Which Survey Tool Is Best for UX Research? (10 Suggestions)

Written by Moritz Dausinger, CEO of Refiner

Look, I don’t want to sound too pompous here, but there really is no other way to put it: User experience truly is one of the core pillars of your product’s success. 

Just think about it: 

  • UX drives customer satisfaction, and that in turn drives everything from MRR to word of mouth.
  • It’s also what boosts engagement with your product.
  • Hell, UX is what customers talk about when they praise your app (even if they don’t use the term user experience while doing so.)

So, whether you like it or not, at some point you’ll have to focus on UX, and the first step you’ll have to take is to evaluate your current user experience by running UX surveys. 

Now, I’ve written about user experience surveys already. I’ve also included some real-life examples of user experience surveys in that guide. And I recommend you read it to learn about how to evaluate your UX. 

In this guide, however, I’ll show you what tools to use to run those UX surveys.

But I have to start with this…

Why does having the right tool matter so much for UX research?

I’m the first one to admit it – Surveys are fantastic. 

And true, I might be a little biased here. My product, Refiner, is a dedicated customer feedback and survey tool for digital products, after all. 

But even speaking objectively, as a research method, surveys are:

  • Cheap to run
  • Scalable
  • And deliver incredible results

But they are also so easy to mess up. I once read a quote from Erika Hall, co-founder of Mule Design, who said:

“Surveys are the most dangerous research method.”

Damn sure they are!

They can deliver amazing results. But at the same time, there are so many seemingly insignificant aspects to a survey that can affect its performance. From the questions you ask, the delivery method, placement, timing, or size of the survey… the list goes on.

Then, there’s the fact that you actually have no way of telling whether you set up the survey right. I mean, there is no clear indicator of an error or a problem with a survey. Sure, a low response rate could suggest it, for example, but other factors could affect the number of responses you get too.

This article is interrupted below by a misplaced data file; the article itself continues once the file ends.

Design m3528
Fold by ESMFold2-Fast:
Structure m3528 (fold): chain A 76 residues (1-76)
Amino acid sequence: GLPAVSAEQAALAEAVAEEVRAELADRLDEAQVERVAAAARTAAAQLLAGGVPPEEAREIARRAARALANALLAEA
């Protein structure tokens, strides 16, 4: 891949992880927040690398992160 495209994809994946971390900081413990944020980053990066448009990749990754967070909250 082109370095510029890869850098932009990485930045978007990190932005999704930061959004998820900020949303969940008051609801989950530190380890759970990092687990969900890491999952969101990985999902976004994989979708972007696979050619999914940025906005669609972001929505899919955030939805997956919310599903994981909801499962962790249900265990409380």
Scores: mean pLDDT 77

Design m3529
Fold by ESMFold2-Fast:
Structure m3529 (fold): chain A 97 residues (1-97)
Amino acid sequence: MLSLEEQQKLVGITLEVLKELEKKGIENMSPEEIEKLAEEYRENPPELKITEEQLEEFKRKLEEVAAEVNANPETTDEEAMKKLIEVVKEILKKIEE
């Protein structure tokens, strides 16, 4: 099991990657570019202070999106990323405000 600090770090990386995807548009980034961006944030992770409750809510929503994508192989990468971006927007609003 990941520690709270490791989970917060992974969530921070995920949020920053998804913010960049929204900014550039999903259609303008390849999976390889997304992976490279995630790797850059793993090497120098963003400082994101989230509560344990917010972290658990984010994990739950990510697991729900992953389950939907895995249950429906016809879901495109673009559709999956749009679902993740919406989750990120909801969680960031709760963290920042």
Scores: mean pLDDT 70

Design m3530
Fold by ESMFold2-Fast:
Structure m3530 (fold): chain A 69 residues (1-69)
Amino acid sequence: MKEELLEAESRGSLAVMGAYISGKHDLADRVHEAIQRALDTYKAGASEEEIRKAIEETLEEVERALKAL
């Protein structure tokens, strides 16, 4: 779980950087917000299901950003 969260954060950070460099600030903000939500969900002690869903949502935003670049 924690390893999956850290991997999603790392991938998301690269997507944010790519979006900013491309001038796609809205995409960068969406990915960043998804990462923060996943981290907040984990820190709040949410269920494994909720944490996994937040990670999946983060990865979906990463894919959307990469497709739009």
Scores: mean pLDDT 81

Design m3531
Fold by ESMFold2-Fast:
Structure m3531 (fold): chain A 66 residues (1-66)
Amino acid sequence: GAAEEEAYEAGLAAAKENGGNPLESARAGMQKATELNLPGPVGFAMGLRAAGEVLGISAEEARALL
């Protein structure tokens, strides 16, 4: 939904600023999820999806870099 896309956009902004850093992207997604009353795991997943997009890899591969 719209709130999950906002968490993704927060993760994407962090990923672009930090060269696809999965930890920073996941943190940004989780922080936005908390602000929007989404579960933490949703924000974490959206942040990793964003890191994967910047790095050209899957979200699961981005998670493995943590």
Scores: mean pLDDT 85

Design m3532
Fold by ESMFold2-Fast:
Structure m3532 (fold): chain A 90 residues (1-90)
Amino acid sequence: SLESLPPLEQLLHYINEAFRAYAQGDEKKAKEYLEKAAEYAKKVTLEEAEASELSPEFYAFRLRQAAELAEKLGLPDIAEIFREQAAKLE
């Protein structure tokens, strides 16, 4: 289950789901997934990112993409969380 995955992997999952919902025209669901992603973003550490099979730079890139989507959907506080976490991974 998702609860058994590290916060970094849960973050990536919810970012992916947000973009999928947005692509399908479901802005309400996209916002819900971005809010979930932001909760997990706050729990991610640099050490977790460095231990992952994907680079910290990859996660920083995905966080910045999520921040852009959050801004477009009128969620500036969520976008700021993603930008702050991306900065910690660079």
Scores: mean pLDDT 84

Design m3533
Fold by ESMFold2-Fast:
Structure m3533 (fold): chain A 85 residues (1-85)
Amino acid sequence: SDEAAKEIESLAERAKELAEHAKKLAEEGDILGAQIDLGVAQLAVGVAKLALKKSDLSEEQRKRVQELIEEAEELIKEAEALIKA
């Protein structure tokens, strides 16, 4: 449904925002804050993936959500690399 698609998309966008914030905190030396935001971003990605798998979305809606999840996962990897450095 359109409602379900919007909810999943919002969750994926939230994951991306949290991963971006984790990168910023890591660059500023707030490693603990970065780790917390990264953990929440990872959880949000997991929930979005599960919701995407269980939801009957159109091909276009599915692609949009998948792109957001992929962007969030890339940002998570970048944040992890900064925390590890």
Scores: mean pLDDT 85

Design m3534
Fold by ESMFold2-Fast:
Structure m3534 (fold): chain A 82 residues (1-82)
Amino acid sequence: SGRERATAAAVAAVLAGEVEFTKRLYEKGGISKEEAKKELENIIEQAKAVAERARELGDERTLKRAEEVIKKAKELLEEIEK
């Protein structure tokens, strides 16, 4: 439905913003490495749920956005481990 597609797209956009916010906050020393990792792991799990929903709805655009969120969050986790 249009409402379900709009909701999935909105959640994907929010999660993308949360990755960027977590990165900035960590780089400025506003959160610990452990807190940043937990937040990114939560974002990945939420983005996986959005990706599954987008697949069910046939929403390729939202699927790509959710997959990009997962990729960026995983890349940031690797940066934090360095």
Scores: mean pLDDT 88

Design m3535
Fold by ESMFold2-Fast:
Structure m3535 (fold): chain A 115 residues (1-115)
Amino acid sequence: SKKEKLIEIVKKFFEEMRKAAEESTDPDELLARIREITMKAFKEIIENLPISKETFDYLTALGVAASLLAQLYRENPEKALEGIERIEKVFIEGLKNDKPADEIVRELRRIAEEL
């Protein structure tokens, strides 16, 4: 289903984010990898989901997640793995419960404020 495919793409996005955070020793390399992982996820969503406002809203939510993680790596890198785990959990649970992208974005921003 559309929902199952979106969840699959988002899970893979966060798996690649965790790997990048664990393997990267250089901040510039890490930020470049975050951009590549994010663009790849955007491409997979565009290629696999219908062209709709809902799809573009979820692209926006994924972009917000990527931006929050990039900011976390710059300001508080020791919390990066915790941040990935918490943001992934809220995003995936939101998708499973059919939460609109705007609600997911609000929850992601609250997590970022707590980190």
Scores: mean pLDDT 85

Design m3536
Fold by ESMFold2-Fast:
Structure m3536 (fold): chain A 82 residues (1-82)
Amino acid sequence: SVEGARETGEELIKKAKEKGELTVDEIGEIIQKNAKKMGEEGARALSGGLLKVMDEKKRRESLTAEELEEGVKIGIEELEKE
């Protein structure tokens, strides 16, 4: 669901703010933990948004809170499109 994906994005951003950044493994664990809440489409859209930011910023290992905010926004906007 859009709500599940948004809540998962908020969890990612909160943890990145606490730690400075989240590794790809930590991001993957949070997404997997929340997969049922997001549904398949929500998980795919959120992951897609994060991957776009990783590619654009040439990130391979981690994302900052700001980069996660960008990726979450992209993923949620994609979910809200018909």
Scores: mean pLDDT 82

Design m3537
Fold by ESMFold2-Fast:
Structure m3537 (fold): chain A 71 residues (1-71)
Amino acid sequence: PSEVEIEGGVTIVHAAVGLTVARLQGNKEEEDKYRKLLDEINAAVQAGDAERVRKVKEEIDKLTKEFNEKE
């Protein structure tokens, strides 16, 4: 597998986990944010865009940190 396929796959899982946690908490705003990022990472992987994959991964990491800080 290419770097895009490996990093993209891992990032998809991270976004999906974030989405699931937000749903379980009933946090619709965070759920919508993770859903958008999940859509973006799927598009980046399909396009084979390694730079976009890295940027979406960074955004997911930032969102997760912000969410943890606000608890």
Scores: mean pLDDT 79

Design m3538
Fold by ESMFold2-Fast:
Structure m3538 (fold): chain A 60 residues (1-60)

Often, you’re almost in the dark about how your survey performs. 

But note I said, almost…

This is where tools come into play. The right survey tool (and by “right” I mean a tool that matches how you work and what you want to get out of your UX survey) will make creating a successful survey easier. Here’s how:

  • The tool will be optimized for the specific target market, type of product, or type of insights you want to collect. 
  • As a result, it will have all the functionality that you need and none that you don’t. 
  • It will also offer ready-made templates that automatically increase your chances of success, etc. 

That’s why you need to review available tools and find the right one to match your product and the type of insights you seek.

In other words, the choice is highly subjective, and I can’t really help you with it. But I can present to you the best UX survey tools on the market, so you can find the right software for you. 

And here they are.

#1. Refiner – Dedicated UX and Customer Satisfaction Survey Tool for Digital Products

Refiner - best UX survey tool.

Refiner (disclaimer – this is my tool) is a customer feedback platform built to help you capture actionable product & user feedback with in-product micro surveys. I built Refiner with digital products in mind. As a result, Refiner is packed with all the features and capabilities that a digital product company or a SaaS brand needs to collect user feedback and measure the UX.

Refiner empowers you to run any type of survey and precisely target the right users at the right time. With Refiner you:

  • Collect more responses thanks to our highly configurable in-product surveys, 
  • Automate actions based on answers, and 
  • Quickly find gaps in the understanding of your users.

Here are just some of the Refiner’s capabilities that will help you run better UX research surveys:

  • Extensive library of survey templates
  • Advanced widget customization options
  • Advanced audience targeting and segmentation
  • Launch triggers
  • Conditional logic
  • The ability to run recurring surveys
  • Follow-up mode
  • In-app, mobile, and email survey delivery
  • Reporting dashboard
  • Slack and email alerts
  • Integrations, and more.

#2. Qualtrics CoreXM

Qualtrics survey tool for UX.

Qualtrics is an incredibly robust research platform that allows organizations to collect, analyze, and act on data in real time. Qualtrics offers a wide range of features that allows you to design and deploy various types of surveys, collect and analyze the data, and report on your findings. 

One thing to say about Qualtrics is that it’s a robust, enterprise-level platform, possibly more suitable for larger businesses than small startups. 

#3. UserZoom

Userzoom UX research tool.

UserZoom is another user experience (UX) research and testing platform that helps businesses improve their digital products and services by gathering feedback from real users. With UserZoom, you can run various user research methods, including live video interviews and of course, surveys.